‘… I have often said that when you have eliminated the natural, whatever remains, however improbable, must be the supernatural.’ – Dr Samuel Johnson
The Fall of the House of Thomas Weir by Andrew Neil MacLeod begins with Alexander Boyle, the rational nightwatchman of Greyfriars Kirkyard, the place with the reputation of the most haunted graveyard in the world, doing his nightly rounds. This night in mid-1773 does not end well for Boyle ‘…even as the scream found its way to his throat, the part of Alexander Boyle that scorned the existence of ghosts— and laughed in the face of bogles, kelpies, selkies, banshees and hobgoblins— was gone forever’.
Meanwhile, Doctor Samuel Johnson, man of letters and lexicographer, has arrived in Edinburgh to visit his friend James Boswell, diarist and lawyer, and undertake a tour with him through the highlands of Scotland. Beyond his literary skills Dr Johnson is also knowledgeable and experienced in occult and supernatural phenomena – something the history books failed to tell us! With his arrival, there are hopes that he will be able to solve the mystery of the Ghoul of Greyfriars ‘a faceless cadaver in a coarsely woven monk’s habit’ who, beyond leaving the nightwatchman a gibbering mess, has been seen abroad in Edinburgh and is implicated in several robberies. Boswell’s immediate response to the nightwatchman’s experience is to consider it more likely the result of drink. But when Dr Johnson and James Boswell set out to picnic on Arthur’s Seat, the most striking of the hills overlooking Edinburgh, a mist descends. Separated, Dr Johnson is attacked by a flock of murderous crows and Boswell is brought to a cliff edge after chasing through the mist after what seems to be his daughter. It is immediately apparent to Dr Johnson that they have been subject to an intense psychic attack. As Dr Johnson says ‘Something doesn’t want us poking our noses around its city.’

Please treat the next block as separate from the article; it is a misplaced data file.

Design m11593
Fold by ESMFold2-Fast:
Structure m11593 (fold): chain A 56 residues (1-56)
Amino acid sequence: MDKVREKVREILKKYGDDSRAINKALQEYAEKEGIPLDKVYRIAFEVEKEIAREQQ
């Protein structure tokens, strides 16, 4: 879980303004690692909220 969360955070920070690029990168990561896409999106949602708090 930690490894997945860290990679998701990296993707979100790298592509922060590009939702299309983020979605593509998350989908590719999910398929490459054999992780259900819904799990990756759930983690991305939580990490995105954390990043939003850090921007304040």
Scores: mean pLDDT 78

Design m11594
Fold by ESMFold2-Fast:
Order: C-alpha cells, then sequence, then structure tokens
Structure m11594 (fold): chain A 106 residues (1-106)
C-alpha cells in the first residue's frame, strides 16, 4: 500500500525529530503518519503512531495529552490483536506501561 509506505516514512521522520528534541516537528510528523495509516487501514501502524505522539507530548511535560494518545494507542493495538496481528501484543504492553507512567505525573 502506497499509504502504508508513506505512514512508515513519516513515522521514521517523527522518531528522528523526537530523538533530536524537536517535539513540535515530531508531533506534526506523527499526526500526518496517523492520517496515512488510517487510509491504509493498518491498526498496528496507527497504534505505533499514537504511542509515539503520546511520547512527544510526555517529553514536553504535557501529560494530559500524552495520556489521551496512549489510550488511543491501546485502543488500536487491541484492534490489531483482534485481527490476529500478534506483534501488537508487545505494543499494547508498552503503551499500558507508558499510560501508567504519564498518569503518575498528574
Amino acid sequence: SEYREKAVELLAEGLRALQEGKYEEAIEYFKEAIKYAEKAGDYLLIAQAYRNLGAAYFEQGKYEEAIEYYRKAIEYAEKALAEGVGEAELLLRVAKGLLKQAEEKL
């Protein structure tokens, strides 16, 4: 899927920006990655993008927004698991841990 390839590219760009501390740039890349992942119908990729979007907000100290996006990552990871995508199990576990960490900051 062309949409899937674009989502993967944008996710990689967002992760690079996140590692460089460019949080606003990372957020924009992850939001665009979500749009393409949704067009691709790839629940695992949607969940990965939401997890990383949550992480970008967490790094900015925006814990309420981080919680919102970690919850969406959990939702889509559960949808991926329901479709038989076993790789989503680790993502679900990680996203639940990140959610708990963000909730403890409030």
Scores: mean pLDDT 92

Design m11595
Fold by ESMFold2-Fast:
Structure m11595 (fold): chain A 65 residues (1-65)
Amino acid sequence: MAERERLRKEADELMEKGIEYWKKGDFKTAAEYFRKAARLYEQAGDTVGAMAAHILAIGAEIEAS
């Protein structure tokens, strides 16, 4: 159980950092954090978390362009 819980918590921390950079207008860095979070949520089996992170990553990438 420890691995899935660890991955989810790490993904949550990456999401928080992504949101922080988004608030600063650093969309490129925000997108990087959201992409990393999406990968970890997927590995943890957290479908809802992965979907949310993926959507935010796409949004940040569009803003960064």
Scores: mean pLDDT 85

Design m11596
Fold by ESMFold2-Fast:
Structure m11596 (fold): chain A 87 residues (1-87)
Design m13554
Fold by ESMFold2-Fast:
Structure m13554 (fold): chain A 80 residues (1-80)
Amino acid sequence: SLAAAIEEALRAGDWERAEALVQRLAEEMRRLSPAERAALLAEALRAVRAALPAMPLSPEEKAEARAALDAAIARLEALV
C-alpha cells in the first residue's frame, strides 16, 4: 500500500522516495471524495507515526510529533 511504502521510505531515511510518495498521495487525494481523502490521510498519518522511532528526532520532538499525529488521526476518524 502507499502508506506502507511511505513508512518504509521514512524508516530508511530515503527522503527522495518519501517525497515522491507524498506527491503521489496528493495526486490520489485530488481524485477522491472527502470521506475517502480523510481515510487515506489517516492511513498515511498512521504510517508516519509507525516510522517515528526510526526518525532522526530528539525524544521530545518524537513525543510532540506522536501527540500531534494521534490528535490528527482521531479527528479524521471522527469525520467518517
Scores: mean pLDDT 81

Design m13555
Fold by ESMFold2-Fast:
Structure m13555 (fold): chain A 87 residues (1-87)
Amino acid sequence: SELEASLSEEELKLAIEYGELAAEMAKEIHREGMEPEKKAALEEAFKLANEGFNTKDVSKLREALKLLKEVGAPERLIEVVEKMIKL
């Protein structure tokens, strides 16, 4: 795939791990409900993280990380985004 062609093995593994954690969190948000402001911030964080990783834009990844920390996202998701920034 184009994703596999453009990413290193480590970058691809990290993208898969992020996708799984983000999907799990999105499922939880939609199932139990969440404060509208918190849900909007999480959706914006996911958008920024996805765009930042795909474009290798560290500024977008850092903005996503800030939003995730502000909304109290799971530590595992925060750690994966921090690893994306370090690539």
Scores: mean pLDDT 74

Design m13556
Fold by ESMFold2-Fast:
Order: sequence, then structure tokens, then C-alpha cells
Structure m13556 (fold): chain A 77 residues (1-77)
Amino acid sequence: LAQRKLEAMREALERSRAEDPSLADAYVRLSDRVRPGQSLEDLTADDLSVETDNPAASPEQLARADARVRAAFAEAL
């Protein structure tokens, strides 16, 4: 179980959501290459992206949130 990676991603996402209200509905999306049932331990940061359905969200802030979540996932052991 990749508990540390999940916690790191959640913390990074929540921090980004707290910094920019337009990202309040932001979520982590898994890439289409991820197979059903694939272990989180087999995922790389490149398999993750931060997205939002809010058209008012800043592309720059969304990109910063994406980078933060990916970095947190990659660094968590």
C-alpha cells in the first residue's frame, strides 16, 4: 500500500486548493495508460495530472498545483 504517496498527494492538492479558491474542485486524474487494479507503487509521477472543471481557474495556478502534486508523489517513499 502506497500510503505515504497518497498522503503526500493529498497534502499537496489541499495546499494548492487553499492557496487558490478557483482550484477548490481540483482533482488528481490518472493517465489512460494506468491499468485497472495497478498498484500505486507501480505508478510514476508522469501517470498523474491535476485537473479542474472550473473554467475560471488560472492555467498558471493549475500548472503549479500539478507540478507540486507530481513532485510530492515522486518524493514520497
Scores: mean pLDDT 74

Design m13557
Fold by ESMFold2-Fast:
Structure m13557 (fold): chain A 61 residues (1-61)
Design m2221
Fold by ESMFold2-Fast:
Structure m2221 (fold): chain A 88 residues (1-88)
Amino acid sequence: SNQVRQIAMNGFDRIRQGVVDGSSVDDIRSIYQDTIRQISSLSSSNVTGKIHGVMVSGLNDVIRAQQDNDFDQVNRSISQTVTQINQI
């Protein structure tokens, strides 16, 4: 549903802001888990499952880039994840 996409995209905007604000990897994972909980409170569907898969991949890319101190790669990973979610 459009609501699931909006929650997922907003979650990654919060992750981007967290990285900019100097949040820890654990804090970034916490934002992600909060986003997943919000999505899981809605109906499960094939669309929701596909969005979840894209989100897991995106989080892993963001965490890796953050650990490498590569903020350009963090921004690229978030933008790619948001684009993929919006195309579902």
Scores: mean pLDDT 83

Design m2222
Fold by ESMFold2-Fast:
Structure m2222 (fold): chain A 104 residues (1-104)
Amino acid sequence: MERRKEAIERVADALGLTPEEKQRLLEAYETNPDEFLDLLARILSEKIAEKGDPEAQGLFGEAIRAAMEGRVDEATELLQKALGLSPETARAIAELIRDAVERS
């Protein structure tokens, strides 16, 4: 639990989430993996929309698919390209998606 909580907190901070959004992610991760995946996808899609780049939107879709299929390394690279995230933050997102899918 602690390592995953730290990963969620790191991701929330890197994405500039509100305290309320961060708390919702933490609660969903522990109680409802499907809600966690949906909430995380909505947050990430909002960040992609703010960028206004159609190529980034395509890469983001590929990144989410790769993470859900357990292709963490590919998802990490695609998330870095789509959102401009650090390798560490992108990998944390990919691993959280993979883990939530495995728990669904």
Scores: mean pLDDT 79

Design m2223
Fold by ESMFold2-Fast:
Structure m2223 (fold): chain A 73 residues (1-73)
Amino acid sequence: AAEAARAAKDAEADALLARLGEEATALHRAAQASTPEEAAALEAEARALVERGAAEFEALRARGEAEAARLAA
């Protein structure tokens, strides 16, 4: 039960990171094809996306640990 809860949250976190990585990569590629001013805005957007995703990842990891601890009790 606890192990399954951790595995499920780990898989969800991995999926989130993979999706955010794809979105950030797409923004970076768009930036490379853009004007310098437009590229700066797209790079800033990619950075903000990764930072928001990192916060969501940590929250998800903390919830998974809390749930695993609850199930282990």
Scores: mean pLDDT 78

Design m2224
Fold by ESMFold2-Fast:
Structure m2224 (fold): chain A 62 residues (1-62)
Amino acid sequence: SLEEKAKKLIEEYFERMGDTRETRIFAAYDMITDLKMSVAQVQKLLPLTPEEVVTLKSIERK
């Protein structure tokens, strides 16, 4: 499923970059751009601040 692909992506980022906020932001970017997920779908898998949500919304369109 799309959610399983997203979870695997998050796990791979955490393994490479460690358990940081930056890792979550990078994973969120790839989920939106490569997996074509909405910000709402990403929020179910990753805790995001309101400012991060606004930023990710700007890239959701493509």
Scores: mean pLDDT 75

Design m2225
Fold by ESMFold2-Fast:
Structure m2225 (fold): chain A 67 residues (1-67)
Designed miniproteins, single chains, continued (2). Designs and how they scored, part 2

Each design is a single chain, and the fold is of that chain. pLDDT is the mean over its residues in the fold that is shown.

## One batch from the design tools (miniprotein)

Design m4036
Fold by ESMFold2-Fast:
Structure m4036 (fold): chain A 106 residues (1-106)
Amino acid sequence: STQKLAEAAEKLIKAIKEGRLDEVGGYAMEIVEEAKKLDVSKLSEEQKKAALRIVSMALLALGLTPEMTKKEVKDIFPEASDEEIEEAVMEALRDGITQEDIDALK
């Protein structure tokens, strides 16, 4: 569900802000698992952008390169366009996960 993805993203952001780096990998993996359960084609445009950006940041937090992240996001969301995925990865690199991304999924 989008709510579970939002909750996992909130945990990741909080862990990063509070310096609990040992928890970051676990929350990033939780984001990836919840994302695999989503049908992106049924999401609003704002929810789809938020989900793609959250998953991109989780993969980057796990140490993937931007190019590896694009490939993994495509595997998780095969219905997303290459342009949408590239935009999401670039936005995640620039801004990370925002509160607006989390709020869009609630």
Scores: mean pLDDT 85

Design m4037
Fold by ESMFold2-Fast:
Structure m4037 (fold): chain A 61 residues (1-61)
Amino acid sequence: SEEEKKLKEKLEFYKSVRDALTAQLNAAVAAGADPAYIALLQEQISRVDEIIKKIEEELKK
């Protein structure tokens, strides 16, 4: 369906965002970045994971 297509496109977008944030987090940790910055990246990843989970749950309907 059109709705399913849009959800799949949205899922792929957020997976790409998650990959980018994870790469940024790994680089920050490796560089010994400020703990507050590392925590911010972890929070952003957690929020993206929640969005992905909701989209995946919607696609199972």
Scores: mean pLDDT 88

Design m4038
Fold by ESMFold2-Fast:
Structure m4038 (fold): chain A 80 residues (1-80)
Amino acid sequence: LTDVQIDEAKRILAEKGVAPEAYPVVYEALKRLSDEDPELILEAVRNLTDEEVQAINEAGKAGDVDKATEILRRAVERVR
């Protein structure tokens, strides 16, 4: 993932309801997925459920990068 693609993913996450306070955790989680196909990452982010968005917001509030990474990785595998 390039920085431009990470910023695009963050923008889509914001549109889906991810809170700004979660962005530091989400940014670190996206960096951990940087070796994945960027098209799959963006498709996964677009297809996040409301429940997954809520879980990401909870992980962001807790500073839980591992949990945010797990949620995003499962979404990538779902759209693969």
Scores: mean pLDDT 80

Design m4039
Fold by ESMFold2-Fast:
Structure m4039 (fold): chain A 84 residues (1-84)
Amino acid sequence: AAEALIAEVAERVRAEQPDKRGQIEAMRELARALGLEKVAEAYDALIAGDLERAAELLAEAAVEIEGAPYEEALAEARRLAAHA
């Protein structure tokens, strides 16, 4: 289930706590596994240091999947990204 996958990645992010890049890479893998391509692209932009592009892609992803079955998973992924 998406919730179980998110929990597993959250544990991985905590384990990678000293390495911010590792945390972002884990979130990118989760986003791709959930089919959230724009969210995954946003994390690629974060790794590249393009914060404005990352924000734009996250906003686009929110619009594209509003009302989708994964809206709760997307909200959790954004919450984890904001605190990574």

What follows is a riveting tale of horror, secret societies, and conspiracy that threaten not only Edinburgh and those who live there but could have far-reaching consequences for the future of the whole of civilization. And at the centre of these threats are the underground streets and tunnels beneath Edinburgh’s Old Town and the abandoned house passers-by will cross the street to avoid, that of Thomas Weir a man who lived over 100 years earlier – ‘a vile hypocrite, polluted by crimes of the most despicable nature, and blasphemies too terrible to repeat’.
This is nail-biting historical fantasy/horror that increases in intensity as the story progresses. Edinburgh and its surroundings, from the cobbles and the wynds of the Old Town to the majesty of Edinburgh Castle and Arthur’s Seat, are vividly described. The reader gets a strong sense of the time with its hierarchical society and its extremes of poverty and wealth. The characters are well drawn, Boswell and Johnson both personable in their own ways. The more minor characters are distinct and brought to life within a few sentences. Andrew Neil MacLeod’s prose has the flavour of 18th century English without being stilted. Many of the chapters begin with excerpt from letters, reports and Dr Johnson and James Boswell’s casebooks of supernatural cases. The casebook extracts, in particular, are beautifully written in prose similar to the historical James Boswell’s own writings.
There are historical elements in the novel that have been changed to fit the needs of the storyline but I don’t see how any reader can complain about this when they are reading about ghouls and ghosts and other barely-speakable creatures of the dark.
The Fall of the House of Thomas Weir is a memorable and satisfying read, though I would recommend not reading too late at night. It is the first volume in Andrew Neil MacLeod’s series The Casebook of Johnson and Boswell.